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The Lighthouse Incident: Preserving Mogadishu's Heritage Buildings

Tuesday May 9, 2023
Yusuf Shegow,

Four lives were tragically lost in Mogadishu after the Lighthouse partially collapsed, raising questions not only about its maintenance and preservation but also about displacement in the city. The protection and preservation of Mogadishu’s architectural heritage is crucial given the challenges it faces in rebuilding its infrastructure and communities.

Built during the Italian colonial period, the lighthouse exemplifies the city’s rich and diverse history. Mogadishu’s heritage structures, like a number of others, suffered years of neglect and decay, resulting in their partial collapse. Besides being a tragedy for the families of the victims, the loss of this Lighthouse is also a reminder that our architectural heritage must be protected and the importance of maintenance of these architectural landmarks.

The city’s population has been significantly impacted by displacement caused by conflict, natural disasters, and urban development. A growing number of displaced people are seeking shelter in available spaces, leading to some unoccupied buildings, such as the lighthouse, becoming temporary homes. In addition to further deteriorating these structures, the additional stress has increased their risks of partial or complete collapse.

The population of Mogadishu continues to grow rapidly as more people move into the city in search of better employment opportunities. The influx of residents is causing rent prices to rise due to the increase in demand for housing. As a result, less advantaged individuals and families are struggling to afford living in cities like Mogadishu, where the cost of living is becoming increasingly prohibitive.

Mogadishu Lighthouse’s partial collapse is a stark reminder of the consequences of neglecting our heritage and the challenges of displacement. It is possible to not only prevent further loss of architectural treasures, but also enhance Mogadishu’s cultural legacy, and improve the quality of life for its citizens, by addressing these issues collectively and implementing comprehensive measures.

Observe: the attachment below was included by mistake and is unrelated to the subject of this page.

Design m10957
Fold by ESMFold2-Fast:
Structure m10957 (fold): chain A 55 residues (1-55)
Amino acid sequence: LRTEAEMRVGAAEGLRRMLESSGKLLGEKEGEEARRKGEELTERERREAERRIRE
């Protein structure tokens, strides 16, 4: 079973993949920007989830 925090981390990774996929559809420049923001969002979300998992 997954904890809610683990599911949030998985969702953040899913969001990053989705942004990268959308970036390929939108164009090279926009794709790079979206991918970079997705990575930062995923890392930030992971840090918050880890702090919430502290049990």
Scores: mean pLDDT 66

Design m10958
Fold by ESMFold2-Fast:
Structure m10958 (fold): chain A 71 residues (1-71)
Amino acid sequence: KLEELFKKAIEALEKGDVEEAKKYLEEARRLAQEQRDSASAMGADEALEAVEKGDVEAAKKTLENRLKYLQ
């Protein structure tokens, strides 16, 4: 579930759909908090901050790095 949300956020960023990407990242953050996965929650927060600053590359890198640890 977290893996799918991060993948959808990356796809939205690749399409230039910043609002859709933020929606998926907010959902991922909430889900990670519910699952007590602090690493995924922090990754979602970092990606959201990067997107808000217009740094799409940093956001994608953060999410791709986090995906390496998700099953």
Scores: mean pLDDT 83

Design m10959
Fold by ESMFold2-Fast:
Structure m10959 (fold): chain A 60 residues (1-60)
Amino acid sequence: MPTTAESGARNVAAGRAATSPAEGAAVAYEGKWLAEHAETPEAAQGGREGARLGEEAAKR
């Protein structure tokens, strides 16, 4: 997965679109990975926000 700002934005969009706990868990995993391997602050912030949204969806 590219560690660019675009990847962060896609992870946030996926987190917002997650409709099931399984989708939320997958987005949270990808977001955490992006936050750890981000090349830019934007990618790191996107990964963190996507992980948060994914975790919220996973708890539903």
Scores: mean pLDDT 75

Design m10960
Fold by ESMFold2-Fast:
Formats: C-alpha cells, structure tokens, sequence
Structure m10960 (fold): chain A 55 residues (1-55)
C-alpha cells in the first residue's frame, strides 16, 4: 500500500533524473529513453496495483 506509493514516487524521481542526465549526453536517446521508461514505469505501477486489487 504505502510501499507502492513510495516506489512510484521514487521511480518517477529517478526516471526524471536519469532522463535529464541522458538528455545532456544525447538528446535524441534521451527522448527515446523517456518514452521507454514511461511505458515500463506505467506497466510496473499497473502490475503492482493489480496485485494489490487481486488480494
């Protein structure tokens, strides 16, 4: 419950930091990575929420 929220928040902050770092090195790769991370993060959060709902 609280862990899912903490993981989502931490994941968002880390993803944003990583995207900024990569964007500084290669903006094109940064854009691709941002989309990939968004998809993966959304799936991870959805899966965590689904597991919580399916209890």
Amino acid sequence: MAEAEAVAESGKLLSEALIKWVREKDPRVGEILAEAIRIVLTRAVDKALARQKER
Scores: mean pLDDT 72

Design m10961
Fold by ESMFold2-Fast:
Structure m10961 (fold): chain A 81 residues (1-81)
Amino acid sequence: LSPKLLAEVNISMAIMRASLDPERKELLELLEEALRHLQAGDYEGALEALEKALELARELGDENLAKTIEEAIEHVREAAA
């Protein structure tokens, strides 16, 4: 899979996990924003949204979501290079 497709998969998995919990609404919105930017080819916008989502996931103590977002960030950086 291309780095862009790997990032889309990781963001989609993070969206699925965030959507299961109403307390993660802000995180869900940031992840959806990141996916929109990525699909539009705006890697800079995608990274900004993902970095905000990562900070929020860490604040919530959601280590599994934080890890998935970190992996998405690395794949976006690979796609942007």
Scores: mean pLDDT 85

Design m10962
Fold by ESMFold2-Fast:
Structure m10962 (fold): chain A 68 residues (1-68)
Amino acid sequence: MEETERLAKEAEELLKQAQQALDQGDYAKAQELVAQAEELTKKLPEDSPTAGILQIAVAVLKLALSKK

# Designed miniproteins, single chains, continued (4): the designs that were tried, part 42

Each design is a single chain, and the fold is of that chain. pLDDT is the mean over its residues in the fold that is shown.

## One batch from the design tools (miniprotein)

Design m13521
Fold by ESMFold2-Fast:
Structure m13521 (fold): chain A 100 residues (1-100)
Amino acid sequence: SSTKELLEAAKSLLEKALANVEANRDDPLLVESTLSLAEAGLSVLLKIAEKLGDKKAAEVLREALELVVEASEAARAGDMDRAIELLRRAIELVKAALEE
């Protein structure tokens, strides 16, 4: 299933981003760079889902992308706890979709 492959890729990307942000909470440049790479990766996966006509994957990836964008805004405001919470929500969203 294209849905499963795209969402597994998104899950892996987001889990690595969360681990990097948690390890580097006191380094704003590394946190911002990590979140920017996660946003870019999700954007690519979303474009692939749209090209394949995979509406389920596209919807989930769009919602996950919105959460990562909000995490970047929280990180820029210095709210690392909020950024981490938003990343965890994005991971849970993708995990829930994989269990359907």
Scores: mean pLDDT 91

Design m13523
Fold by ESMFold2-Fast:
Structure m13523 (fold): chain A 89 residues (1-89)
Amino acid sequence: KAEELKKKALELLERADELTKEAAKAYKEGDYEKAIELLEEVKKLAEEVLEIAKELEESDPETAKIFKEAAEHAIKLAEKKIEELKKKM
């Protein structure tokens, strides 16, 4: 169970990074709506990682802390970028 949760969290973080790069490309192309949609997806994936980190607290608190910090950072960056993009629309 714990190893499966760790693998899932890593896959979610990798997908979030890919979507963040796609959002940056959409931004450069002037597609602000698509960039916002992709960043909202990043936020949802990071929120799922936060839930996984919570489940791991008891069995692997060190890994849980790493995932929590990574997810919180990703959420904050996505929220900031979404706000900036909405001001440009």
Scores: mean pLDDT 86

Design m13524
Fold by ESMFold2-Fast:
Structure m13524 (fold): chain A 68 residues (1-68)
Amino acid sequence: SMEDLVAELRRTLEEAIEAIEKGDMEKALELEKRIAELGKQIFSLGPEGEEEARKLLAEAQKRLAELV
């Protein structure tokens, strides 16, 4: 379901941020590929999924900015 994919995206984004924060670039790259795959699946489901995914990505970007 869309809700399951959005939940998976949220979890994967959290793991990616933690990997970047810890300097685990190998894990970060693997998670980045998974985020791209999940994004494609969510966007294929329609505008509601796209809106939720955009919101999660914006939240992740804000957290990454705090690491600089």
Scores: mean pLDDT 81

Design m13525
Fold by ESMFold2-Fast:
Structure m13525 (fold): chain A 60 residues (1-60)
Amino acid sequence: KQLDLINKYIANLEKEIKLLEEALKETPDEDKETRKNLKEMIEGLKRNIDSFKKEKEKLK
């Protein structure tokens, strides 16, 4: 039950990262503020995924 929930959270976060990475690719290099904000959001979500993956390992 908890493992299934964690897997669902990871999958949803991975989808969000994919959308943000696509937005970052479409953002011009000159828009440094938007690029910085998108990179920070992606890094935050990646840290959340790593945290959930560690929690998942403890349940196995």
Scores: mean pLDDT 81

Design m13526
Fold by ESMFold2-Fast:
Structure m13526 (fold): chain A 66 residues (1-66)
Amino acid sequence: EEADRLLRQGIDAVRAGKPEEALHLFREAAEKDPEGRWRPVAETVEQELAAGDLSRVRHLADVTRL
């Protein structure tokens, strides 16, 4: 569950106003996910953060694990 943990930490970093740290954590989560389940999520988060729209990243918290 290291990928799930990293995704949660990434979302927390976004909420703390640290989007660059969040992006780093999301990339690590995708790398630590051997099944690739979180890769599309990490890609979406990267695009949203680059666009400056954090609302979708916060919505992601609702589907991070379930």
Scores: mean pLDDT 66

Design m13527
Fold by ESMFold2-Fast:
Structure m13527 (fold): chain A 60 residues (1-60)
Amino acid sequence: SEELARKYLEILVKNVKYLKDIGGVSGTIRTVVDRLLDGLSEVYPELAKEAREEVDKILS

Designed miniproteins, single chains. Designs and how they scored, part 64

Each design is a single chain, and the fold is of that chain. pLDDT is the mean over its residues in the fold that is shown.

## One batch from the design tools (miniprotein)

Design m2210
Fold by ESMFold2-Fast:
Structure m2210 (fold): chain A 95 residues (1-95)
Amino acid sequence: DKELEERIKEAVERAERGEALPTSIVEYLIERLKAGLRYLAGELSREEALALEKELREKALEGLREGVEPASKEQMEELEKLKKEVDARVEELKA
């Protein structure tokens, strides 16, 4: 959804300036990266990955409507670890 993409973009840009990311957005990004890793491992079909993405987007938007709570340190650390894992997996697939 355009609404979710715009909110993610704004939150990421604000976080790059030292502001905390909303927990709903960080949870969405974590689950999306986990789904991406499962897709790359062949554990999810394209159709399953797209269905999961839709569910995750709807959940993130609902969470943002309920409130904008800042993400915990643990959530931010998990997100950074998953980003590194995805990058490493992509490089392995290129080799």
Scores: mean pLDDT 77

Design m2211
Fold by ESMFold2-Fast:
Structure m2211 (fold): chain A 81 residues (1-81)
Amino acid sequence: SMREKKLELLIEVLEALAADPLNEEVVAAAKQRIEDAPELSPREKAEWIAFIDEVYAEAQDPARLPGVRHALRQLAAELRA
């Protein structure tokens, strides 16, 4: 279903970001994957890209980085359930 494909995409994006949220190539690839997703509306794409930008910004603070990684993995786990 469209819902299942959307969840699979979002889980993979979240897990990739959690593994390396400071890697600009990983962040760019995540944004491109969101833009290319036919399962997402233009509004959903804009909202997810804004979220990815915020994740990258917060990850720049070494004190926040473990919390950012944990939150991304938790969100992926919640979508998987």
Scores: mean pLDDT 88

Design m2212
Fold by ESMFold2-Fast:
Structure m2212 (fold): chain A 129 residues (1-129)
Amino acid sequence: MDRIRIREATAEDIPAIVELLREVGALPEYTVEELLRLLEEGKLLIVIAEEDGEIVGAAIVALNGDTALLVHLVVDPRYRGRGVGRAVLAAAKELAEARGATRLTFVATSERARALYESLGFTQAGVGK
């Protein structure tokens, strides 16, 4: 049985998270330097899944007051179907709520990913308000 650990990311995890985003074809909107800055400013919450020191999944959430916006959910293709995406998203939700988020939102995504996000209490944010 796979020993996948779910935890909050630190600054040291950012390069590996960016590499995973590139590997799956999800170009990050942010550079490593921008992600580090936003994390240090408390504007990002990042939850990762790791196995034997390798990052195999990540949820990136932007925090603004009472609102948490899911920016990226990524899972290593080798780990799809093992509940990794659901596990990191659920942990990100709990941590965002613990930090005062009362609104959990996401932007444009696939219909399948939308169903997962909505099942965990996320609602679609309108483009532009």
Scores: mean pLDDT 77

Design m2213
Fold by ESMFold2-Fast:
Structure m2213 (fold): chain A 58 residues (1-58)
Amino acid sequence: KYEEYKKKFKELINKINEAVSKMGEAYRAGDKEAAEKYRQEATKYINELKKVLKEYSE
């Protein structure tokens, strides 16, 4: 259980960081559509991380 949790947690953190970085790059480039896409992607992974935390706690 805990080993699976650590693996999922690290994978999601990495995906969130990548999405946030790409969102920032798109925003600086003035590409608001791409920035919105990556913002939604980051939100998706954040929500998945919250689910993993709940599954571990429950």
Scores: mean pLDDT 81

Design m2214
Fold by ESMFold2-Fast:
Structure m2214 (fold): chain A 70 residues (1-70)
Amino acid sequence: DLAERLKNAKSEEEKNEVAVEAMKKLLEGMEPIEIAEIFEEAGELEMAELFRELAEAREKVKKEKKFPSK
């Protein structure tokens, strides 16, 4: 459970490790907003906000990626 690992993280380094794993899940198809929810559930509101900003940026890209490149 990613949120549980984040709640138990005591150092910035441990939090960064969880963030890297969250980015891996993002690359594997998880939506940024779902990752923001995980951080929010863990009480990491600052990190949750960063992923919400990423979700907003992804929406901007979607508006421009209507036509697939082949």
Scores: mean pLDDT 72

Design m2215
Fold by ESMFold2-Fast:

It is important to recognise that the only reason we are aware of the four deaths in the lighthouse disaster is because the structure was well-known. This raises questions about the likelihood of further catastrophic occurrences in vacant or lesser-known buildings, which might go unreported or overlooked. This emphasizes how crucial it is to thoroughly monitor and examine every building in the city and countrywide, regardless of its present use or visibility.

The recent ratification of the UNESCO World Heritage Convention by Somalia is a step in the right direction towards recognising and safeguarding its rich cultural and architectural heritage. Now that this commitment has been made, it is time for federal agencies, local governments, and specialists to collaborate in order to locate and nominate heritage sites around the Somali for protection and recognition. This procedure will not only protect these invaluable assets but also advance sustainable development and raise pride in Somalia’s illustrious past.

As we continue to work on digital preservation, all relevant stakeholders must do their part to safeguard Mogadishu’s historical buildings and monuments. Taking action on displacement and preserving architectural gems requires a collaborative effort among city officials, local communities, and experts.

Yusuf Shegow
[email protected]


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